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Thursday, April 28, 2005


one of the most interesting things about social work is the variety of environments you can work in -- places that you would never choose to go, but change your life once you experience them. in this case, i still have not had the chance to see the inside of a nyc jail, but i just spoke with a fellow sw student who is just finishing up his first-year internship at one of the most well-known (and not for its exemplary record). hard to believe that they'd send a fresh-faced post-grad to a place like that, right? you should have seen my parents face when they heard i'd be going to the south bronx...

for one of our final papers in this class we're supposed to follow the progress of one of our clients. this student in my class was not allowed to do so because the jail he was working at would not let him. the situation there is so bad and so discouraging that they won't even let their sw interns keep track of their own progress for fear of it getting out to the press or an ex-inmate with a good lawyer. now that alone sets my teeth on edge because this is supposed to be part of the educational process, but what it says about what is happening inside the jail is even more frightening.

last month the ny times did a lengthy expose on the ny state prison system and the private healthcare company that is supposedly providing medical care to the inmates, but seems to be lining its pockets instead -- what a shock! and you thought that the kind of company that would make a profit off of the health and well-being of prisoners would be a vision of beneficence.

anyway, it is my feeling that this is just the tip of the iceberg. the prison system has turned into big business. how many people get fat off the misfortunes of others? since when has the revolving prison door become a substitute for real mental health care? and why do we feel that we own people's souls as soon as they enter the justice system? why do we punish people for their addictions rather than try to help them? who's thinking about all of the children that grow up in foster homes because their mother's are in prison serving manditory minimum charges on drug possession? where are they likely to end up? what have they done to diserve that kind of life? and why are politicians spending their time arguing over steroids in baseball and unnecessary changes to social security when thousands of americans are suffering -- and that's not even talking about the millions of working americans who go without healthcare! when can we stop talking politics and start talking about how to run the country??

anyway, that's my rant for today. on to more hopeful topics tomorrow...

Wednesday, April 27, 2005


i'm reveling in the brief glory of a semester almost over. one paper is done, another due next week, and then a whole week of freedom. okay, really four days... but, dammit, i'm going to enjoy those four days. i'm going to watch mindless tv, drink martinis i can't afford, and hang with my bird. sounds like a kick, don't it?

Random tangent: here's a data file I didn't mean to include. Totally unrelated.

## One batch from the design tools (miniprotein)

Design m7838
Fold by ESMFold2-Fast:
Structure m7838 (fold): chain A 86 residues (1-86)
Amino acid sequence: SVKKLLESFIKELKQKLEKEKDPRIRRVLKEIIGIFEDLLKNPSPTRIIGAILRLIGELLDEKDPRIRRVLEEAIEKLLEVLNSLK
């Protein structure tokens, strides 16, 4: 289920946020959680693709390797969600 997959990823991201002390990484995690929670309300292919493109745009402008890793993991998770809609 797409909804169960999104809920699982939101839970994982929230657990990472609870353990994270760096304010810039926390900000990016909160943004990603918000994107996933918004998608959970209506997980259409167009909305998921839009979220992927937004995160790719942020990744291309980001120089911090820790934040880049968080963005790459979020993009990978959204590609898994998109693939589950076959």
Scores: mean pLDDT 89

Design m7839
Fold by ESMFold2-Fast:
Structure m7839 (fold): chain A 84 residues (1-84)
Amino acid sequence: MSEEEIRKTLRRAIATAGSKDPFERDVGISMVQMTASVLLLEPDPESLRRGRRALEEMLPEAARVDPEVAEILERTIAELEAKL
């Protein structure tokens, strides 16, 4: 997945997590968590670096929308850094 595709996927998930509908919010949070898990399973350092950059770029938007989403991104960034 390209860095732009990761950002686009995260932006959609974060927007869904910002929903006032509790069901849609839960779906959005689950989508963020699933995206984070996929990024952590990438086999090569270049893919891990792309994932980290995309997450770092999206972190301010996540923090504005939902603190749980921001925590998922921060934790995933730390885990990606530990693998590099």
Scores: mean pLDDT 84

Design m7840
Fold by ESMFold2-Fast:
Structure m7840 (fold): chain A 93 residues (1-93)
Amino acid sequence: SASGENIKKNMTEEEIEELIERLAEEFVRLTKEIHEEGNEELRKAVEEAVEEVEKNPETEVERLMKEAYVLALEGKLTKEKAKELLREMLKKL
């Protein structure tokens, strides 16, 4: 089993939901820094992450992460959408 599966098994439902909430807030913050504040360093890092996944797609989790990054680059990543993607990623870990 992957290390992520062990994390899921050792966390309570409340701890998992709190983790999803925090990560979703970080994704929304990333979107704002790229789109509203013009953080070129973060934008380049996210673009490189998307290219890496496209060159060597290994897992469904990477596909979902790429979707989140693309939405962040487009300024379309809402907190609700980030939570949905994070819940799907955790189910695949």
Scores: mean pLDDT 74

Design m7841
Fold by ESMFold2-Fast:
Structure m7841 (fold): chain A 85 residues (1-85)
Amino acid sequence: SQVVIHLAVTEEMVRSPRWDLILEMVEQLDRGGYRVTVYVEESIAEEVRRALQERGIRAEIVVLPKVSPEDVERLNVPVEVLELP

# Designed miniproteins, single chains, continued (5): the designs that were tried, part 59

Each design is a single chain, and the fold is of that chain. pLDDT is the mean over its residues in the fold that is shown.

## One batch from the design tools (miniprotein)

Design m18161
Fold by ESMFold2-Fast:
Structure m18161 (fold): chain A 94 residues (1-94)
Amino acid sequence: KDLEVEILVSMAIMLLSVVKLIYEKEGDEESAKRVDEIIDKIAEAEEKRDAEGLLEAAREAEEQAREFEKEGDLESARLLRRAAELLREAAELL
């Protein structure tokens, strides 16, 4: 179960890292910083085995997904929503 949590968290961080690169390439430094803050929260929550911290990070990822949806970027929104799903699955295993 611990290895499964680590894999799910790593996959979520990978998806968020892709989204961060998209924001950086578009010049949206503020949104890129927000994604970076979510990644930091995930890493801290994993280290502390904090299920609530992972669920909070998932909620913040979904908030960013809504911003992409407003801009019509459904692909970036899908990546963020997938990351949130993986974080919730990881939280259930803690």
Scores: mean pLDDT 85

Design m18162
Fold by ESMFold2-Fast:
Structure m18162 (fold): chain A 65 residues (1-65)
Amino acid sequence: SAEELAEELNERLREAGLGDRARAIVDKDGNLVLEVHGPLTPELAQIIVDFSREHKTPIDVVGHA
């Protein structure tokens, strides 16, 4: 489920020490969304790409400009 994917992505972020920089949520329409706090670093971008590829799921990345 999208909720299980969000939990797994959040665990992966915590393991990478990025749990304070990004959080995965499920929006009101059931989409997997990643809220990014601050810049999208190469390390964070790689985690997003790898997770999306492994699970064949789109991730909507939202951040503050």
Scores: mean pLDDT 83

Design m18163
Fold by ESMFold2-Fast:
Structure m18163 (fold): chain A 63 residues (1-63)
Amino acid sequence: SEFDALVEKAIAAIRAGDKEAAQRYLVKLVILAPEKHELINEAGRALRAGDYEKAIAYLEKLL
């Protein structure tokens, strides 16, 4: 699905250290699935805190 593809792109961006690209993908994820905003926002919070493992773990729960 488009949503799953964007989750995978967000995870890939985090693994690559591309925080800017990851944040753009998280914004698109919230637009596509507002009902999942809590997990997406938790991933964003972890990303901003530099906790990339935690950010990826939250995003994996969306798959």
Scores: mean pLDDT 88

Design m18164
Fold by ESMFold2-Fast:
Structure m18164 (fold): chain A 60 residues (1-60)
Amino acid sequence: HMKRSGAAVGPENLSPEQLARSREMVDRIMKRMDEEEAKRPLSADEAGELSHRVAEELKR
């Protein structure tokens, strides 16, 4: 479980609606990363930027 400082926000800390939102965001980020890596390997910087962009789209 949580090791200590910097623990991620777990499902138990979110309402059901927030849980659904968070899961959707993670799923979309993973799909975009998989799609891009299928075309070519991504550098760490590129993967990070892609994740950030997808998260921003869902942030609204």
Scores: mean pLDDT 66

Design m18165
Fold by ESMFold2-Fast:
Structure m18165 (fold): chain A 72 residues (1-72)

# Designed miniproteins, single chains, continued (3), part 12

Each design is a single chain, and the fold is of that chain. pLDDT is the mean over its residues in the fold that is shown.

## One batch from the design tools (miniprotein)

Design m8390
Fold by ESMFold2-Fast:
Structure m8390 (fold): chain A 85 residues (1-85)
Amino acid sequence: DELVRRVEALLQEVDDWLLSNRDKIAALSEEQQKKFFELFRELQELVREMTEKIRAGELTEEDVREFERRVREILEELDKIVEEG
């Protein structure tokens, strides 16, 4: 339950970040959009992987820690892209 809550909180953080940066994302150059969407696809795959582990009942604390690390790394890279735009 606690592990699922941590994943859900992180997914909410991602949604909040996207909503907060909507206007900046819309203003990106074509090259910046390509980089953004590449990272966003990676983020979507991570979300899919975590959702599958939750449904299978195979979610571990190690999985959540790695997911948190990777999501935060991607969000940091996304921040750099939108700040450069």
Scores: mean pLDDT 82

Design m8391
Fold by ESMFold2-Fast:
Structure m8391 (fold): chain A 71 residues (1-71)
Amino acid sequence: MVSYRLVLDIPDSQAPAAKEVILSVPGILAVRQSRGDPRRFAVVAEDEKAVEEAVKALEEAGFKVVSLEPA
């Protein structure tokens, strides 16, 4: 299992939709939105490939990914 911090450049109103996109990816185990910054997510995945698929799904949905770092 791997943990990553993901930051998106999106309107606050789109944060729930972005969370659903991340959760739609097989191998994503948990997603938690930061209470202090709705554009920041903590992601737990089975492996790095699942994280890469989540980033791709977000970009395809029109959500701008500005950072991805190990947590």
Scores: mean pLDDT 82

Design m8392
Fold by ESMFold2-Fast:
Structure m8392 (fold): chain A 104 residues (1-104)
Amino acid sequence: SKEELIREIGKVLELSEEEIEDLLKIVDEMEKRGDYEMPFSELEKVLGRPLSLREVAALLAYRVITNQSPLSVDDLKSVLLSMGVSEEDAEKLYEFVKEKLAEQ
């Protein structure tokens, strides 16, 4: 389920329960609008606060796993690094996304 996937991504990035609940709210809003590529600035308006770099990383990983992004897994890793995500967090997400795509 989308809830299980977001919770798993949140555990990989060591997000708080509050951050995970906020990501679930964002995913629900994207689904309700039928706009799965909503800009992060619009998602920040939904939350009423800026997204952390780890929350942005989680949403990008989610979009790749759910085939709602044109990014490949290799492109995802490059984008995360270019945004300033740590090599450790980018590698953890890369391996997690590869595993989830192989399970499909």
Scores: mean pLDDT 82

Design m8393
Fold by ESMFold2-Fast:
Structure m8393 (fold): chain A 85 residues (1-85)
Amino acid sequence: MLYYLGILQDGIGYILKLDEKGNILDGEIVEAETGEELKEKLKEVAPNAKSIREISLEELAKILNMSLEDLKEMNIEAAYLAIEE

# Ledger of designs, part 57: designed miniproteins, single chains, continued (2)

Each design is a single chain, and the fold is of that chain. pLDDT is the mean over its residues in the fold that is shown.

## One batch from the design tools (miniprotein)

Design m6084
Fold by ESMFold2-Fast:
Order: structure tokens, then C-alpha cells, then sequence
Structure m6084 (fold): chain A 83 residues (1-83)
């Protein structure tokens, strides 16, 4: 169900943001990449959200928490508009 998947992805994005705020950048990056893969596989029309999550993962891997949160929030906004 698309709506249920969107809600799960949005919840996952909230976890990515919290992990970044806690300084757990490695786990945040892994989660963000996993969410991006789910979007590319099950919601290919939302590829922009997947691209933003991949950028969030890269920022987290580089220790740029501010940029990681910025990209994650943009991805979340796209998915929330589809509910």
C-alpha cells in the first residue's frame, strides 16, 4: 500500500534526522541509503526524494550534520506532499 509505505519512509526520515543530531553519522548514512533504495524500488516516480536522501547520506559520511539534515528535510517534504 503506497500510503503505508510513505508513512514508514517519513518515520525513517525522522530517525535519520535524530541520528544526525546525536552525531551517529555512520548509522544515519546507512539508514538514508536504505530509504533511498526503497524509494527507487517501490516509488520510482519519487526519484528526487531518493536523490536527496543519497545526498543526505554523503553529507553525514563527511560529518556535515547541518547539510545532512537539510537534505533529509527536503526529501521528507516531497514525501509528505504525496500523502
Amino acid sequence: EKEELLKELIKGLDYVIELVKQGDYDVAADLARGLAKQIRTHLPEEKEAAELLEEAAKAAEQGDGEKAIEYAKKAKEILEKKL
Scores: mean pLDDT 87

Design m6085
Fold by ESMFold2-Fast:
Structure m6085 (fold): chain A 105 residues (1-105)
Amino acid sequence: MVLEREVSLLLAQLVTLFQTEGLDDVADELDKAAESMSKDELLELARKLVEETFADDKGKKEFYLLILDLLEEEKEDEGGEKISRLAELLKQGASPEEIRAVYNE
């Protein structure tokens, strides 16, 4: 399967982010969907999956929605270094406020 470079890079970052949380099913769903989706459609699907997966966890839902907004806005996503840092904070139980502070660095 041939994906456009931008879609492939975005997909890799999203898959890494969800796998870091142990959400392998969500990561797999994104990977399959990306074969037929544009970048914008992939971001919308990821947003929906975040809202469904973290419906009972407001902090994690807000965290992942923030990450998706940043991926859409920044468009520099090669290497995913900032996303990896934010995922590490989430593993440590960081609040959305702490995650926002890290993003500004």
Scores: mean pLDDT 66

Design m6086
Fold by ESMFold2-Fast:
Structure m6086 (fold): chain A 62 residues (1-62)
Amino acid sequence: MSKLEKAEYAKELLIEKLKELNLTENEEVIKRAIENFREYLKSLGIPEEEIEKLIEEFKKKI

well, since doodleboodle can rant, i shall rant... i'm sure that rants are quite rare on blogs, aren't they? most people just talk about how wonderful life is and how it just couldn't possibly be better, right? that's what i thought... anyway, let's begin with bridesmaid dresses -- ugly or not, they are so darn expensive and they are never (i repeat, never) colors that you would wear in real life. now as someone who got married and inflicted bridesmaid dresses on others, i feel somewhat comfortable about this rant because i've seen it from both sides. if my mom wasn't kind enough to pay for my bridesmaid dresses, i like to think i would have gone the democratic route and said "wear anything in and around the shade of _____ (insert whatever frightening bridesmaid color here)." that way they could interpret "lavendar" to mean "black" or "aquamarine" to mean "black." you see where I'm going this....

anyway, i'm over it. i realize that this is the price of friendship, and i'm willing to accept it.

second rant. dumb RAs. no, i don't mean slightly flighty RAs. i mean brick on a slow day RAs. i have one this year that requires detailed instructions on how to take paper out of a box and put it on shelves. "oh, you mean over here?" "this box?" "how should i stack them" yes, sheer brilliance... and for those out of the loop, this is an ivy league school. just goes to show you how little that means.

well, i'm off to get a head start on those martinis.

Tuesday, April 26, 2005

and so it begins...

i was just admiring a much more eloquent friend's blog and thought how cathartic such a thing might be. after the requisite hour of trying blog name after blog name, i came upon inspiration -- or at least a name that didn't get thrown back to me.

why "elegy to lost youth" you might ask? well, it so happened that as i tried in vain to come up with a suitable "blogspot" name i was listening to a dead can dance song named "elegy." i thought to myself -- hey, that has nice ring! of course i haven't recently lost a loved one or been unceremoniously jilted by a lover, so i thought perhaps i should dedicate this blog to my youth. (i also figured the name "elegy" alone would have a 99% chance of having already been taken.)

remember youth? not everyone has fond memories of their youths, but i think i was quite fortunate when pre-adult years were being handed out. of course i have wiped high school from my memory almost entirely, so i am speaking here strictly of pre-adolescence -- before the traumas of semi-formals and bathroom graffiti. no, my youthful memories are of climing fences, ice-cream cakes by the pool, and late nights watching splash over and over again. now that i have to support myself (well almost) and pay taxes, i feel that perhaps those years are gone. i miss them...